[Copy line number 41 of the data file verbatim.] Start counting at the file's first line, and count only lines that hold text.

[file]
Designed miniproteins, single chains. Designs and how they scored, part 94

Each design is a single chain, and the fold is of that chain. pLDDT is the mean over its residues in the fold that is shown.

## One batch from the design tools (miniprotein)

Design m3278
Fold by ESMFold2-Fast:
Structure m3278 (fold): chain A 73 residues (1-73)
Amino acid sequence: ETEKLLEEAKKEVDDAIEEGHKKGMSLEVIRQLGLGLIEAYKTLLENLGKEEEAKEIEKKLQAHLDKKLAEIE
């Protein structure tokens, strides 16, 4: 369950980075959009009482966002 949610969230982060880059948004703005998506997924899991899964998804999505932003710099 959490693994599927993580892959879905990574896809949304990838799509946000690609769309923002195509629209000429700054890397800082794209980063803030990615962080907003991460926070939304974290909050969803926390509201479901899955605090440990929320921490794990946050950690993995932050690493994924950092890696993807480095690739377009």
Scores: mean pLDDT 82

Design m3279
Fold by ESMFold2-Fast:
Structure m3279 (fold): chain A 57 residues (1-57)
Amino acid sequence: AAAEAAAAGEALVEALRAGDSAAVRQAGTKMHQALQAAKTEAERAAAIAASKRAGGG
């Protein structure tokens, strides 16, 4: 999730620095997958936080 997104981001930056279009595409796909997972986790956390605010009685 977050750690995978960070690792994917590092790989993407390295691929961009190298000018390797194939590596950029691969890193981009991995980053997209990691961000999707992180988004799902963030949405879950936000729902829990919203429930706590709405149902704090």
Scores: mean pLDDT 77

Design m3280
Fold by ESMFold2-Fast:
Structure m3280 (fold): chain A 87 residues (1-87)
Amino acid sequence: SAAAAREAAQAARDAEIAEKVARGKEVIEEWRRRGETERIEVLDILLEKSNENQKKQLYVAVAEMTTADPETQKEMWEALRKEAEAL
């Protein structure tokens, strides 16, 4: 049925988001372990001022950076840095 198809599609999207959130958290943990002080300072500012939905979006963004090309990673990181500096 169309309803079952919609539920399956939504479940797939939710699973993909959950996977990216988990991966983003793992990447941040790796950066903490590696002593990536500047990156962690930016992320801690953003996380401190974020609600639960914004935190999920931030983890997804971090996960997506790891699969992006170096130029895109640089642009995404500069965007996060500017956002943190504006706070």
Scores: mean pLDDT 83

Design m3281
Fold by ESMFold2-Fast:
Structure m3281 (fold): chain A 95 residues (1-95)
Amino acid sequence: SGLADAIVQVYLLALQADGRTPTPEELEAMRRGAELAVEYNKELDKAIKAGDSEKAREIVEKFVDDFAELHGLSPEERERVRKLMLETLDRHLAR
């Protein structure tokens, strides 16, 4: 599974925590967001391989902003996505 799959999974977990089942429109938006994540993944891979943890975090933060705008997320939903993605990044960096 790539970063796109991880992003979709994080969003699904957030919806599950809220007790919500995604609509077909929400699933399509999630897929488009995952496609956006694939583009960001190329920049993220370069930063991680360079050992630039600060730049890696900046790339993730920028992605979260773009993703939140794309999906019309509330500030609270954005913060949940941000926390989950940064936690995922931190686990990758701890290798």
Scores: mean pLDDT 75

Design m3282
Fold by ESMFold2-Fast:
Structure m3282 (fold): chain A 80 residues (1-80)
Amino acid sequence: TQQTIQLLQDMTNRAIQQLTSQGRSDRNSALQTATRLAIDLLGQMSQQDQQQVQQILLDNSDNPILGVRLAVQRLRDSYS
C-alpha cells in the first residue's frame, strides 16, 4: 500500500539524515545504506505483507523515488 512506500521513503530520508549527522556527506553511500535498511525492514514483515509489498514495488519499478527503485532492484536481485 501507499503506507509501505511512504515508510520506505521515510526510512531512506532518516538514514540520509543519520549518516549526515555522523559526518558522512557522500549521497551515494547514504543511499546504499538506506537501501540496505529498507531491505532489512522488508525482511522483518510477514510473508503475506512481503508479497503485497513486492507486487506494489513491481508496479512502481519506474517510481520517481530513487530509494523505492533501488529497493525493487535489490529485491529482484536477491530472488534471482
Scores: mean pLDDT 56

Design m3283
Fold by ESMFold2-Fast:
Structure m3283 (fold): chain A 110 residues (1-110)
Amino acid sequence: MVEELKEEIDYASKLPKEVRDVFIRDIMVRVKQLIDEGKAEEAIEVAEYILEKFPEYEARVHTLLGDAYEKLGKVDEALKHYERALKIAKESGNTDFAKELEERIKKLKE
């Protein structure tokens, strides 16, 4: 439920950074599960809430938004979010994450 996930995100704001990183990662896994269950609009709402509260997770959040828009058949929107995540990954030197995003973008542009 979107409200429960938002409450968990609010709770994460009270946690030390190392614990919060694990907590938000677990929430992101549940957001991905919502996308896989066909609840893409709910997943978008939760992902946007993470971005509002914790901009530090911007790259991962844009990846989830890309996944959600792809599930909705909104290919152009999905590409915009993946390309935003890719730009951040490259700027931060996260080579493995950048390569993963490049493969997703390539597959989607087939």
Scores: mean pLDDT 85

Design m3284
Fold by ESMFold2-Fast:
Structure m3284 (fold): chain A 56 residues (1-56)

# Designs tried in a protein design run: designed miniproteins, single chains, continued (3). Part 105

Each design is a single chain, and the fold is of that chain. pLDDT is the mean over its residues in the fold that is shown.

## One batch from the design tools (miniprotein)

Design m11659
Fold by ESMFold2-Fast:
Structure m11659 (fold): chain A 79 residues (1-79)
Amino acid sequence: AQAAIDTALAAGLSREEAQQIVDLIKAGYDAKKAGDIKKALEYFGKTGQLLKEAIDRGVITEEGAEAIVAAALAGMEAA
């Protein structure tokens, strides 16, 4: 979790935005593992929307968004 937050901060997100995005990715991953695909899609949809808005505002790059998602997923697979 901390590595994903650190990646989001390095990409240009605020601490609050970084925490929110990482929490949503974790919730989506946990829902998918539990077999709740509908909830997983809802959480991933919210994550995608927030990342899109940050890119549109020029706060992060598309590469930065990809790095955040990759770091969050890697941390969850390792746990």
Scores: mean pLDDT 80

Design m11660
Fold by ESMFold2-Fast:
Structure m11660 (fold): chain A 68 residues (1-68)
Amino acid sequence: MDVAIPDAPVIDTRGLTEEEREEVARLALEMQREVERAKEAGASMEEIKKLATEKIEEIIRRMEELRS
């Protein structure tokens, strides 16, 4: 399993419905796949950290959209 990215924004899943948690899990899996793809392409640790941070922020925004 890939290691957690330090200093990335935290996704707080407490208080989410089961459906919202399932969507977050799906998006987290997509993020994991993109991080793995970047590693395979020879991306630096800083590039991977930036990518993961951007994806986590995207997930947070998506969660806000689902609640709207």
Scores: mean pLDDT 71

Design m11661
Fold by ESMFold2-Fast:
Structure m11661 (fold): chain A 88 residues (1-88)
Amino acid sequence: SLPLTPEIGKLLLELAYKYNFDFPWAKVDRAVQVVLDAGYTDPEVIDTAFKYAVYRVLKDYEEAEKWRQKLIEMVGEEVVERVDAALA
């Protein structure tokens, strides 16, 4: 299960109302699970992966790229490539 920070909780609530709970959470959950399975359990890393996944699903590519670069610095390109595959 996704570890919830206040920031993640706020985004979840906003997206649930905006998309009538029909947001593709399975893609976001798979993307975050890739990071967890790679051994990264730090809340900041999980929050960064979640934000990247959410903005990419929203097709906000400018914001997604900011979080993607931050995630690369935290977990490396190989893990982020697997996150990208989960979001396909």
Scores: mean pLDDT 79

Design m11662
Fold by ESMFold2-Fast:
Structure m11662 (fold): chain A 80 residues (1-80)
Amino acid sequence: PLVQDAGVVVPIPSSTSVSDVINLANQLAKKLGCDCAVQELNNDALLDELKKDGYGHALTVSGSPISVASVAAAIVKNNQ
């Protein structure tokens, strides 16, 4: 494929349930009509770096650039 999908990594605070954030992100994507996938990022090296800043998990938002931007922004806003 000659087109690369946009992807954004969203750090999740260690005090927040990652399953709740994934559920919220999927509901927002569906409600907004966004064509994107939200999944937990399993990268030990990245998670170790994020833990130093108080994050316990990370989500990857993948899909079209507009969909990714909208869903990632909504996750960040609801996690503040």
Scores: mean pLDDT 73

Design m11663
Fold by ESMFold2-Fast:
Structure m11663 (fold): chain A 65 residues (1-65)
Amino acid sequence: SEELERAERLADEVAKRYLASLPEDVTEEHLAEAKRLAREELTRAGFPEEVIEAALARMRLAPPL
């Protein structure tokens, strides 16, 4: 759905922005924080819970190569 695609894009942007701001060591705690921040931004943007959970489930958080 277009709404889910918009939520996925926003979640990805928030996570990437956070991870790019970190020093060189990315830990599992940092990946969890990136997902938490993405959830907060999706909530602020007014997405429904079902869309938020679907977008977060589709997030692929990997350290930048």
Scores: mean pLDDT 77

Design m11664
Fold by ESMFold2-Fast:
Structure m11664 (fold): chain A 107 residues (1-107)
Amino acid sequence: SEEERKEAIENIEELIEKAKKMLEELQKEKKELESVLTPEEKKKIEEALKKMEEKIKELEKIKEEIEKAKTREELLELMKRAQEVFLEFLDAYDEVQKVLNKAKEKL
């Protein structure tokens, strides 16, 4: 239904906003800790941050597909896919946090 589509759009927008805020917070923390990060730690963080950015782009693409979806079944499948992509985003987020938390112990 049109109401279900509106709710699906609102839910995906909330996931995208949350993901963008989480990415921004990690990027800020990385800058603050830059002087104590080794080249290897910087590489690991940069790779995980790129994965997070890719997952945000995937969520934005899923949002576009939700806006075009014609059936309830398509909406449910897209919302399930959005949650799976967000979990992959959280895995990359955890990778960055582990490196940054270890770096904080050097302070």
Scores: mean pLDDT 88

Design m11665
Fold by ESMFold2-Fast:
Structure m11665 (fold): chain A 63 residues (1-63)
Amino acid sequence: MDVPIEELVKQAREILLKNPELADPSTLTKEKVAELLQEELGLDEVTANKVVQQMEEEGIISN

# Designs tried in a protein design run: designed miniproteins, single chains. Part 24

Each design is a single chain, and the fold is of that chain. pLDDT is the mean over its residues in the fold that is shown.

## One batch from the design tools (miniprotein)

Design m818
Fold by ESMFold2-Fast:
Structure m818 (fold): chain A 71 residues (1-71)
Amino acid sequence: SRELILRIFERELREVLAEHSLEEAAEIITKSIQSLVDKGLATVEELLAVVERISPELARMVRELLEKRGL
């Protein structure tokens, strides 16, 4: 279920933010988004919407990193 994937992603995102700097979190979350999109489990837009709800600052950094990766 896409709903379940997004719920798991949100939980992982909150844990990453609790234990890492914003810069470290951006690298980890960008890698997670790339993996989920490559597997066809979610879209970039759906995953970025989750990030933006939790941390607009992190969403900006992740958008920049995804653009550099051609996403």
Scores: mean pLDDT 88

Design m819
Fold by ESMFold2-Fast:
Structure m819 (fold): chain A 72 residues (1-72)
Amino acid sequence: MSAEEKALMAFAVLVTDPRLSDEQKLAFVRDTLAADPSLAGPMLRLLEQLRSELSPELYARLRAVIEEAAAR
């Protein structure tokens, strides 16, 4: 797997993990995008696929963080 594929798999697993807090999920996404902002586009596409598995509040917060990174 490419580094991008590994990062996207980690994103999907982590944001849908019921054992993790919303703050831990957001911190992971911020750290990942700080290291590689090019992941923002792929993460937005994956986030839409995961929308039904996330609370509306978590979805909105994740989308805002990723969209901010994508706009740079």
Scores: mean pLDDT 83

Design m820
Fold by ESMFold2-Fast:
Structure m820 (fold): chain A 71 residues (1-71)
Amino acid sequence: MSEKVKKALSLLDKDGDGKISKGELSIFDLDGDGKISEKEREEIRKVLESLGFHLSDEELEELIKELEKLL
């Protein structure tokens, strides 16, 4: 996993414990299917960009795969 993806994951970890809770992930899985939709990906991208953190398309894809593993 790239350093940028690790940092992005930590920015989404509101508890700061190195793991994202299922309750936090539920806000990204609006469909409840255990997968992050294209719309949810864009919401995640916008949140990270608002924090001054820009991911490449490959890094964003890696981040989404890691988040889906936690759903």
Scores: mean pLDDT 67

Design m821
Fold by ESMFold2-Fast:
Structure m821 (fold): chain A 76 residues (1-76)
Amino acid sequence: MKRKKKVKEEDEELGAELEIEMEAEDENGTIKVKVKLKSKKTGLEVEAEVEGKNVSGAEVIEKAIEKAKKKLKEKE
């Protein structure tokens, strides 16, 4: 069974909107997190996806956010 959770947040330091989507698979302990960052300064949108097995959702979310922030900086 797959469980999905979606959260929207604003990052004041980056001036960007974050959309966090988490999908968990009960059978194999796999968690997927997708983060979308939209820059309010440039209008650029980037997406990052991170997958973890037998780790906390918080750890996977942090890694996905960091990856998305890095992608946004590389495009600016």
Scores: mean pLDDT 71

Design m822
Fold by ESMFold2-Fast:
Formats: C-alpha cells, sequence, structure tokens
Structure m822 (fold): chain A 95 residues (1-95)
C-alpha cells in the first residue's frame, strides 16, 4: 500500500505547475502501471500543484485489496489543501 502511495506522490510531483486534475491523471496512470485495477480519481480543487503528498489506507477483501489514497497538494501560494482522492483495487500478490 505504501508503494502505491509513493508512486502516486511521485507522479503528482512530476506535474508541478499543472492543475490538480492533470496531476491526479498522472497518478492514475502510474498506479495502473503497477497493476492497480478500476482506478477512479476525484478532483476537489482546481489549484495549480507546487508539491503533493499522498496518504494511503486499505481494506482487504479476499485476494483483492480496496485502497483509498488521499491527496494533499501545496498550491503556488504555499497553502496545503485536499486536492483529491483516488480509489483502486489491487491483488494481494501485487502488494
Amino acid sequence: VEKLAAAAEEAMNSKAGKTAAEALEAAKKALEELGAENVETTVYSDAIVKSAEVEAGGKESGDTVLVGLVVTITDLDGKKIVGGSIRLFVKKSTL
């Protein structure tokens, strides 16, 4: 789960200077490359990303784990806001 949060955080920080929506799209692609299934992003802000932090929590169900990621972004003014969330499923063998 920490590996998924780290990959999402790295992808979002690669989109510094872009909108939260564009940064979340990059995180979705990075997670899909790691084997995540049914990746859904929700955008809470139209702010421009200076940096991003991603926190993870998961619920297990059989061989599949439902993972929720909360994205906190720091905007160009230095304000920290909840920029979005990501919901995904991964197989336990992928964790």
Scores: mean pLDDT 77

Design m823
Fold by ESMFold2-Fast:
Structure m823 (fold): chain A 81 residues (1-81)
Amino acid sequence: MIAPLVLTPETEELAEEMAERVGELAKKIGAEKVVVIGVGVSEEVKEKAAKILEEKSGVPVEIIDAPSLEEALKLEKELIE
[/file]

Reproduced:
Fold by ESMFold2-Fast: